September 27, 1999

 

 

Boy Scout leader Winkley still enjoys roughing it after 38 years


 
The News-Times/Carol Kaliff

Donald Winkley has been involved with the Boy Scouts since 1961.

By Robin DeMerell

THE NEWS-TIMES

BROOKFIELD Donald Winkley's secret to staying young is simple: he loves working with children.

An active Boy Scouts of America leader since 1961, Winkley is still going strong at age 61 as the assistant leader of Brookfield's Troop 5.

"I've always been interested in working with kids. After I got active in Boy Scouts, I had two daughters," said Winkley with a laugh.

A Brookfield resident for 38 years, Winkley is an insurance agent for the Davidson Agency in Danbury. He has been in the insurance business for 40 years.

Winkley and his wife Gail have two daughters, Marla and Donelle, and four grandchildren.

Pointing out that there are three troops in town, Winkley is pleased to see so many local boys active in scouting.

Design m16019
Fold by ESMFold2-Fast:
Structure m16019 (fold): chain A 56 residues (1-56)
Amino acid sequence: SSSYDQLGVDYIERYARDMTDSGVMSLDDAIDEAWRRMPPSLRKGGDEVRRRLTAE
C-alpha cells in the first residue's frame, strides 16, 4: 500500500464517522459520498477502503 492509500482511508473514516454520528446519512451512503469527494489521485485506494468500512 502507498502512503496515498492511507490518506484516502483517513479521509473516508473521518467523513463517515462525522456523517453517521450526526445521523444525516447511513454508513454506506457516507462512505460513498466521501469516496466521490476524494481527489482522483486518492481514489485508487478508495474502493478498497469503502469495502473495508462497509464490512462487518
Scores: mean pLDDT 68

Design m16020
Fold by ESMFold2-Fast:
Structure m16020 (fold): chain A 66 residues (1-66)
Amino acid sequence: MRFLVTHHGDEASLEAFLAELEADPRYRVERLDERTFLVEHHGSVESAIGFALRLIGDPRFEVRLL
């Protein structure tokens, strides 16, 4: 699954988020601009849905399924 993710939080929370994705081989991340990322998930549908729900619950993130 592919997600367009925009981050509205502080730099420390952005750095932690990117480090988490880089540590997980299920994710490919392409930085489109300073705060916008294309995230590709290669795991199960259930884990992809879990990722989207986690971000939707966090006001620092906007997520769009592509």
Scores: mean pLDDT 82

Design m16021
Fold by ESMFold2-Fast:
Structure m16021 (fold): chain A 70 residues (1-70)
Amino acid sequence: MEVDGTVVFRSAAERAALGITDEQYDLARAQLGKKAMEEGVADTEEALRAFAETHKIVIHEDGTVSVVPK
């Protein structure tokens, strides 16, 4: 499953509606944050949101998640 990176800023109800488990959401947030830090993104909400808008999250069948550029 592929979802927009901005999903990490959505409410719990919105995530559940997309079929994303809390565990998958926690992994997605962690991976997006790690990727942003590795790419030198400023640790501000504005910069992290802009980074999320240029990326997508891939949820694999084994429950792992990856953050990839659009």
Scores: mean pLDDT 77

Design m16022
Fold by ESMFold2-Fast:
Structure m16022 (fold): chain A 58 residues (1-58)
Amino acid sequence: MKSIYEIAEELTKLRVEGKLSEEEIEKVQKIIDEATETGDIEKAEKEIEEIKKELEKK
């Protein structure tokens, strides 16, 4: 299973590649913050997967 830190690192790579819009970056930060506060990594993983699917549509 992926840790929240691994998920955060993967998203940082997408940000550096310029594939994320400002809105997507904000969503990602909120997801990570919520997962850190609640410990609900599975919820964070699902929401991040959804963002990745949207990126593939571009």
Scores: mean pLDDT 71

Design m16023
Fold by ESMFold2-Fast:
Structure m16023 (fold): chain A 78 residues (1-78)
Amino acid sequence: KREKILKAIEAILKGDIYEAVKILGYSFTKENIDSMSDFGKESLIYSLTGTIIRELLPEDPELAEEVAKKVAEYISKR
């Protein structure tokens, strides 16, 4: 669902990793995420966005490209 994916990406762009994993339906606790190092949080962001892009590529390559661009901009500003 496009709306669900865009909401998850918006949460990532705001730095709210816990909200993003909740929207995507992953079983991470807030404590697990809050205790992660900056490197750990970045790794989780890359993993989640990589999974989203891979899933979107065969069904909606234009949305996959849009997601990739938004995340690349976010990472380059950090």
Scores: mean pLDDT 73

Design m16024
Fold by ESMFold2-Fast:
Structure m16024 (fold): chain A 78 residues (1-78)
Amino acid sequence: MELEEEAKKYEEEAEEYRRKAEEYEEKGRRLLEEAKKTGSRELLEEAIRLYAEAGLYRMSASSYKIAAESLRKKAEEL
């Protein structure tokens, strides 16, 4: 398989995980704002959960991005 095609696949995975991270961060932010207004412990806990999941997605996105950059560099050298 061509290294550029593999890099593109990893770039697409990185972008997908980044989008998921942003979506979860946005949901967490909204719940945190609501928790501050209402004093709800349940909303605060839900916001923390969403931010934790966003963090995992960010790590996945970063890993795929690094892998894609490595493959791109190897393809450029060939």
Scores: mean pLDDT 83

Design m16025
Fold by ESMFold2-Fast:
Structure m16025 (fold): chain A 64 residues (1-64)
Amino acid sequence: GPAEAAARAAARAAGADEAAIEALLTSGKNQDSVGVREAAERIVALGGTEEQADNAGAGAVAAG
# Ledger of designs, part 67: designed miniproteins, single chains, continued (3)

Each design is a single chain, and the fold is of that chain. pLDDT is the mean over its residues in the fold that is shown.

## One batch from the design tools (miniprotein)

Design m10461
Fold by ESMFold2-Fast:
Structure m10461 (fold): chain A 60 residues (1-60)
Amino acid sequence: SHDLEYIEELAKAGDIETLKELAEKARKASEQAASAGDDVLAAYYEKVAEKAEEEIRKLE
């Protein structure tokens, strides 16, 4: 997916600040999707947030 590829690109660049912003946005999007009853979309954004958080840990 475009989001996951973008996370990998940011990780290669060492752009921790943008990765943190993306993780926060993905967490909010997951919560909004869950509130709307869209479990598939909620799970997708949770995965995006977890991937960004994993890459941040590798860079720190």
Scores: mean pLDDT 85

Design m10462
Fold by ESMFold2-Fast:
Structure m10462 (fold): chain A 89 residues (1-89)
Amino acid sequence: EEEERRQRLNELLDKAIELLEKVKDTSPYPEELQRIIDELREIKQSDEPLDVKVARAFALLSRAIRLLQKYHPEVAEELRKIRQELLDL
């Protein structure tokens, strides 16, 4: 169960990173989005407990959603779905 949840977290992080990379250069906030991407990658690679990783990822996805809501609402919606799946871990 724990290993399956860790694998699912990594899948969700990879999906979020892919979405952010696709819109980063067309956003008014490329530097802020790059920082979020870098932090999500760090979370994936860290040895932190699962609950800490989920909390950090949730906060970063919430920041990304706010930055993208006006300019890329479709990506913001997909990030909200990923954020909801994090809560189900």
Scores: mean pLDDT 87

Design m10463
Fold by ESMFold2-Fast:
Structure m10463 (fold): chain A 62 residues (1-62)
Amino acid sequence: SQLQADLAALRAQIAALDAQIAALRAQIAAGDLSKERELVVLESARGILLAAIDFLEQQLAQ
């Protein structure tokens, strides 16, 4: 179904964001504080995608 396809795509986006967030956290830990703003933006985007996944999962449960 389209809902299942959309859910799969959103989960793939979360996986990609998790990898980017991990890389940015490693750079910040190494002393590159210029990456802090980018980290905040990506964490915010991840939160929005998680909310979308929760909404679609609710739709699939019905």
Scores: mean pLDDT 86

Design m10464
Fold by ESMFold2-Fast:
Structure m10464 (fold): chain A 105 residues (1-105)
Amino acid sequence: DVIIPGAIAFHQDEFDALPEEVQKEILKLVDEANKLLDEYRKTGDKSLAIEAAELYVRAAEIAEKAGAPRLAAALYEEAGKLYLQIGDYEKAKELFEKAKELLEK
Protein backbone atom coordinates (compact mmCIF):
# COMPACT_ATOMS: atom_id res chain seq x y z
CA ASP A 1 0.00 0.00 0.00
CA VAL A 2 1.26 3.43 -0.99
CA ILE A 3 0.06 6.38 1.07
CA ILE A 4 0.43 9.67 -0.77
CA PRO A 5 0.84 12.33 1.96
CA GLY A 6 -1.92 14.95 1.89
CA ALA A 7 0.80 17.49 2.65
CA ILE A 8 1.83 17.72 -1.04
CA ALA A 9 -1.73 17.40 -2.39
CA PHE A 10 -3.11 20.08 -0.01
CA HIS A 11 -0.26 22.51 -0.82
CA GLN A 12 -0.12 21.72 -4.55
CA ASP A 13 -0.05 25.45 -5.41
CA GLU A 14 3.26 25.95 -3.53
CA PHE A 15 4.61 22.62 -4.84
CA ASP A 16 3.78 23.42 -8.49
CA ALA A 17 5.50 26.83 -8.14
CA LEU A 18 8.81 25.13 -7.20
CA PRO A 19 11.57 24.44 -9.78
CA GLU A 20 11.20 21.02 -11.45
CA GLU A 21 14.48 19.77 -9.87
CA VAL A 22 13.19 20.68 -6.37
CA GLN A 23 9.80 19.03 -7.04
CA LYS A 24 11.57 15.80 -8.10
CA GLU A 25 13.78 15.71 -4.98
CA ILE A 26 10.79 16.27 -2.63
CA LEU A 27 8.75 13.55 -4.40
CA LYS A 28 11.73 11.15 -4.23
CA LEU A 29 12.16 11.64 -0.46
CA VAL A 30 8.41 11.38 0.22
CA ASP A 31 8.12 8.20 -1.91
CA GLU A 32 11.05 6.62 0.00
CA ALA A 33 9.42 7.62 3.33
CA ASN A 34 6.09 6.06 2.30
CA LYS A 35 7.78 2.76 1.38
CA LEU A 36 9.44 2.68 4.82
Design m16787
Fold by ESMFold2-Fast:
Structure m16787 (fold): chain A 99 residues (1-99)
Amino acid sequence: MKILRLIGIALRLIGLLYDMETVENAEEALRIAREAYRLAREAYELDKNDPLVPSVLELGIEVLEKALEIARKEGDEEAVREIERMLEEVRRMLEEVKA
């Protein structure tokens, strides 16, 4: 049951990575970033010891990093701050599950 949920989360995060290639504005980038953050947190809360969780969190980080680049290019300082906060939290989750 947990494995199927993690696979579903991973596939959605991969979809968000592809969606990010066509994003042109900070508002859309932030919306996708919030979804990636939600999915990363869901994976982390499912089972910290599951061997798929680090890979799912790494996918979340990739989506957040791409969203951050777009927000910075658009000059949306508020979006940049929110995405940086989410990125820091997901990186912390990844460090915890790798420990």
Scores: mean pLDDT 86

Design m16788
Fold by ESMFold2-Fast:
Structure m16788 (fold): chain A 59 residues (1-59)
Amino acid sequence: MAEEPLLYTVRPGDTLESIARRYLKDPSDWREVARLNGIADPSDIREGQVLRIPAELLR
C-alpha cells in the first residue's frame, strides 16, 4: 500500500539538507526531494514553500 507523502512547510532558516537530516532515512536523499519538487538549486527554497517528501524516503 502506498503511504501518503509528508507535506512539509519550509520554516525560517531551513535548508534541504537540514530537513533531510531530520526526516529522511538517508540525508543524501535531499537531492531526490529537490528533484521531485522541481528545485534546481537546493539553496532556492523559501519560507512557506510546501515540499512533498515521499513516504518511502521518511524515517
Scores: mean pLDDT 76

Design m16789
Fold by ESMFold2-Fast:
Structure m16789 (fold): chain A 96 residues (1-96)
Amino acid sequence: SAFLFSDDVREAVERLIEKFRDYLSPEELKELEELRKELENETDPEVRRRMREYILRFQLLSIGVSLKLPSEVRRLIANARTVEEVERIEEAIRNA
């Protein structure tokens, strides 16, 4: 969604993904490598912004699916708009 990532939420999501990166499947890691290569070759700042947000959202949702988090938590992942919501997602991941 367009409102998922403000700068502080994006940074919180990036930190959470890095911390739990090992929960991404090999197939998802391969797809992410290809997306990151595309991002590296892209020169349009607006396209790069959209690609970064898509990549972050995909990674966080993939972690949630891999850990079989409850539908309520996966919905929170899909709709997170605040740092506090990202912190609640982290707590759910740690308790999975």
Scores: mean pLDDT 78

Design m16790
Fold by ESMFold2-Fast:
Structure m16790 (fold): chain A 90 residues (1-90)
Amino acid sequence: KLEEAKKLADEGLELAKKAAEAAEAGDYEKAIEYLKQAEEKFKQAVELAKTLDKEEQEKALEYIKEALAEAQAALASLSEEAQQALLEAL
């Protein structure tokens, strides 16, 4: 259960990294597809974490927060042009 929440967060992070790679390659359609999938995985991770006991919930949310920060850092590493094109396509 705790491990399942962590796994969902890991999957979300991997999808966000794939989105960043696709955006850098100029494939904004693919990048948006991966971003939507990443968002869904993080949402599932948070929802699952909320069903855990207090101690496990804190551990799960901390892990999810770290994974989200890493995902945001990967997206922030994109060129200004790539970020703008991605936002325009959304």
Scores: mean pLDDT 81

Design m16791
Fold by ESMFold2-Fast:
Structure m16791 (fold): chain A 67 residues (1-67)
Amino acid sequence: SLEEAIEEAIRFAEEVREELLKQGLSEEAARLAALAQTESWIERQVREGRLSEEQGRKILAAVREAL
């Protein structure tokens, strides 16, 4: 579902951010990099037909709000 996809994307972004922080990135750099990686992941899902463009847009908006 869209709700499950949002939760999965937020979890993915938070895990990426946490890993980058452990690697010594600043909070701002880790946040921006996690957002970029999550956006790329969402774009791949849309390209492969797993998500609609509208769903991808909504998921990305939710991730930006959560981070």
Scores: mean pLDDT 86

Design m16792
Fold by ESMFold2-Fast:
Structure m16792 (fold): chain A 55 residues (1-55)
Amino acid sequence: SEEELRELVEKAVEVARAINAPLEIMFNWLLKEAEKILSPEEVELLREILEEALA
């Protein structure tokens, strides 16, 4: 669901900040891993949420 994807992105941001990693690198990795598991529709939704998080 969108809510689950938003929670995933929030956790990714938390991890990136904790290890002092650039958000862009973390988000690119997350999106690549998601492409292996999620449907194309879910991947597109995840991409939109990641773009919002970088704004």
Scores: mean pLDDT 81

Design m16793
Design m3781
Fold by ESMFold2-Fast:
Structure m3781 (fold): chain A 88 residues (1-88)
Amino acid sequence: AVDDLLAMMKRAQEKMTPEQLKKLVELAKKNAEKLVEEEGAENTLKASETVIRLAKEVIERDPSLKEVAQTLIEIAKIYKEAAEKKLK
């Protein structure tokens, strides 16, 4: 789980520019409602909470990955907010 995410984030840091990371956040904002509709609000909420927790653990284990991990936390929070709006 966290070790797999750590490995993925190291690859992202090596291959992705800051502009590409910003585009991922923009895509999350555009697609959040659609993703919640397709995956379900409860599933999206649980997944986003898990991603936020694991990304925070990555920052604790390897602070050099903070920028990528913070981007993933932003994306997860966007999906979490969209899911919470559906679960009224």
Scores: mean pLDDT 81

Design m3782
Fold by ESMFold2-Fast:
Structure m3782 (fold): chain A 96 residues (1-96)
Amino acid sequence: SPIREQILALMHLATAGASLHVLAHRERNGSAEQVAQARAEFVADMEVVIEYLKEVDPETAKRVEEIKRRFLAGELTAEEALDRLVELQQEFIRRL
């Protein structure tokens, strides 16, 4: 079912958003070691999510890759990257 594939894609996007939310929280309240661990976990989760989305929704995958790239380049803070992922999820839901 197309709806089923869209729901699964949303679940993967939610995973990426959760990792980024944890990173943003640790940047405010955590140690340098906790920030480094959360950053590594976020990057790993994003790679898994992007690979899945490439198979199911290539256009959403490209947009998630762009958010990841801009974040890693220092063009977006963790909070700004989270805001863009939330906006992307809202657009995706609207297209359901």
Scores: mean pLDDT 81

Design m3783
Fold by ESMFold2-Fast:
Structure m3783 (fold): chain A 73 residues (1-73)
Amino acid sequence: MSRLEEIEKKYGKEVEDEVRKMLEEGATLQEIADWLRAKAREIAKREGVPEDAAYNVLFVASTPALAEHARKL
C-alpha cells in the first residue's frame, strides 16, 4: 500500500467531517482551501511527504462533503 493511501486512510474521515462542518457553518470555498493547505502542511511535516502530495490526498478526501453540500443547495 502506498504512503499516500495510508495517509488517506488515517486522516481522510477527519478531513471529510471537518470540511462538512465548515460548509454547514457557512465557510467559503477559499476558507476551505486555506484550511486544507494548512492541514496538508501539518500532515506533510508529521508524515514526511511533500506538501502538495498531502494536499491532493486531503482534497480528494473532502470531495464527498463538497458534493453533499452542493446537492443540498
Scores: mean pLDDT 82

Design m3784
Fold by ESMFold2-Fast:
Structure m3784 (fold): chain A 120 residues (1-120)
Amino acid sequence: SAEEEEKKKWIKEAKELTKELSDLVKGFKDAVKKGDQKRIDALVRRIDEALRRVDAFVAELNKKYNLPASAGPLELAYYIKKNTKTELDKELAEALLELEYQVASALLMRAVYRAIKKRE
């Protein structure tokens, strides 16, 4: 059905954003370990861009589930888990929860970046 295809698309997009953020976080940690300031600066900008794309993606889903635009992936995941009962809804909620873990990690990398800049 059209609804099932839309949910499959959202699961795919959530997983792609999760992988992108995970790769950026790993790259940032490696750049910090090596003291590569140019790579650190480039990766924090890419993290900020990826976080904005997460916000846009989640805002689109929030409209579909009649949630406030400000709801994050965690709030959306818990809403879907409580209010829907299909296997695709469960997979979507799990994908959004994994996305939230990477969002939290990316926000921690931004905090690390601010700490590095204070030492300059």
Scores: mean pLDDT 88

"It really teaches family values. They learn self-sufficiency, they interact with other scouts and they interact with adults," Winkley said. "For the most part they don't learn it somewhere else. Boy Scouts puts the boy in a position of having to rely on his partners or patrol to accomplish a task."

In April, Troop 5 went camping on the Niagara Peninsula, where it met up with a Canadian troop.

"We go camping once a month year-round and (Troop 5 members) have not missed (a month) since February 1963," Winkley said.

Other camping trip locations include state parks and forests. During the trips, scouts are required to set up their own tents and cook their own meals.

"Sometimes the food works out pretty good. Sometimes it doesn't," Winkley said. "But, Mom isn't there to help out."

The 30-member troop meets once a week at St. Paul's Episcopal Church, where the boys learn first-aid skills and advance through the ranks by earning merit badges.

"It's a constant setting of goals," said Winkley.

Troop 5 has produced 40 Eagle Scouts, which is the highest rank attainable in scouting.

"My favorite thing is watching kids mature," he said. "I get calls from kids who were in the troop 30 years ago calling to see how I am."

Two past troop members have sons in Winkley's troop.

A member of St. Paul's, Winkley is also serving in his third consecutive year as president of the town's Historical Society. The proud owner of 1965 and 1966 Ford Mustangs, Winkley is also active in Habitat for Humanity and the Lions Club.

 

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